- Meditation increases the thickness of gray matter (ie, neurons) in parts of the brain responsible for attention and sensory processing, increasing “the integrity and efficiency” of messages sent between neurons.
- These same changes allow more effective regulation of blood pressure, heart rate, and many cognitive functions including reward anticipation, decision-making, empathy, impulse control, and emotional control.
- Meditation causes an increase in white matter in the brain, facilitating connections between neurons and increasing learning ability and many other intentional abilities.Scans of meditators’ brains show increased blood flow to areas involved in attention, awareness, executive control, calmness, creativity, and compassion.
Still other studies show reductions in anxiety.
A study at Royal Sunderland Hospital in Great Britain involving Centerpointe’s Holosync audio technology (which creates meditative brain waves using combinations of pure sine wave tones) showed significant reductions in pre-operative anxiety compared to typical methods.
Another Holosync study showed a 43.77% reduction in cortisol, the main stress hormone.
Meditation also increases executive control.
Executive control increases the ability to plan complex cognitive behaviors including personality expression, decision making, and social behavior. Executive control also increases positive emotions and life satisfaction.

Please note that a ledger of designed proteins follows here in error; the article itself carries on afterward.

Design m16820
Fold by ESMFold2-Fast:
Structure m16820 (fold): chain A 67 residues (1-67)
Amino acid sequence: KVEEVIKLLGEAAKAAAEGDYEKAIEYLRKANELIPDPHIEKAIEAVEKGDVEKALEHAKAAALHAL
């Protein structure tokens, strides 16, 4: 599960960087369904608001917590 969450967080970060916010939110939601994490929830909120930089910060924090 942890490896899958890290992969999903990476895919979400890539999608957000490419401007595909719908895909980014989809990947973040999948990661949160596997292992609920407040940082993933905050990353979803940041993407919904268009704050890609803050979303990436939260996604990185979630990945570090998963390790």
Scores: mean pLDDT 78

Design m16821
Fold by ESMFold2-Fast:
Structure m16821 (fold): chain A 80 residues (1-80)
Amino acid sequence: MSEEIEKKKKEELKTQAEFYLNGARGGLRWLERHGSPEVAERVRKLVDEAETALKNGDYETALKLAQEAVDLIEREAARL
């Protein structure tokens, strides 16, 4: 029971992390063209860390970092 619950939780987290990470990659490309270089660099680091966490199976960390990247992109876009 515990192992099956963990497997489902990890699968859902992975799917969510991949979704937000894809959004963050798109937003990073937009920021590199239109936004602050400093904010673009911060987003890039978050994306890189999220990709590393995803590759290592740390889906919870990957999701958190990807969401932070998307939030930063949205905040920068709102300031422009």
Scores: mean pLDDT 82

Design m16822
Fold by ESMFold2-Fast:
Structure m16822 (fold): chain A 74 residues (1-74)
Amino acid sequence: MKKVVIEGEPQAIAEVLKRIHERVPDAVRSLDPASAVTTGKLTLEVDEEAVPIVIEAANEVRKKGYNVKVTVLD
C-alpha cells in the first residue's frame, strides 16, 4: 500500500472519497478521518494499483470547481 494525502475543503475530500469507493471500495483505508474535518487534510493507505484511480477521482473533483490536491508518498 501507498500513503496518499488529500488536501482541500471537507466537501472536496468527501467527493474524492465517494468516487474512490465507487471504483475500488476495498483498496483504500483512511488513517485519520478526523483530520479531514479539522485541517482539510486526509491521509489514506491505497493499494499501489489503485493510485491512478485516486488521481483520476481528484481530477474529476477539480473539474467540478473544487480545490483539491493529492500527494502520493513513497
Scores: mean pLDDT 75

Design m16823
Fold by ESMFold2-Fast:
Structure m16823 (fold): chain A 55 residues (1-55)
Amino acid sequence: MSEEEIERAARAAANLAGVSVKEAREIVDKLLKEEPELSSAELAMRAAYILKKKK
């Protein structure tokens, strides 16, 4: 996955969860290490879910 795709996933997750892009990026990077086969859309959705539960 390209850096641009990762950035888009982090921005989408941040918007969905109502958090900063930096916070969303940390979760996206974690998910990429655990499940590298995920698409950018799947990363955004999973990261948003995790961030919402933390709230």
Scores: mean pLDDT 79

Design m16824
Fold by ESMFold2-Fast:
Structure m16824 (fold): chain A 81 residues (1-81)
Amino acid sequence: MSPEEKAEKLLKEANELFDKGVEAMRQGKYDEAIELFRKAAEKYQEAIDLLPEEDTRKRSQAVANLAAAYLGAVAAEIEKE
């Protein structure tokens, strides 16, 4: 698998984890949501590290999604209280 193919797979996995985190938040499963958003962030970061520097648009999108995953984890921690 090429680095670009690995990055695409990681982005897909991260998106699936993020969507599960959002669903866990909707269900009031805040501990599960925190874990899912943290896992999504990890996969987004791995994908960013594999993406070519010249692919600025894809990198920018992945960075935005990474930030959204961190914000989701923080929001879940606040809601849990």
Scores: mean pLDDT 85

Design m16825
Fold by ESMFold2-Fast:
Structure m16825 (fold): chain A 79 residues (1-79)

Again, more awareness = more choice.
Meditators more easily perceive objects directly rather than cognitively (ie, without automatically projecting qualities onto them), leading to an increase in “accuracy, objectivity, and quantity of perception” (how much is noticed).
In meditation studies done with the Dalai Lama, University of Wisconsin neuroscientist Richard Davidson discovered that meditation enhances attention and the body’s ability to heal itself, while decreasing anxiety, depression, fear, and anger.
Your brain’s amazing neuroplasticity…
This increase in awareness is possible because of something previously thought to be impossible: the brain’s ability to change in response to stimulation, movement, experience, or thinking—its natural neuroplasticity.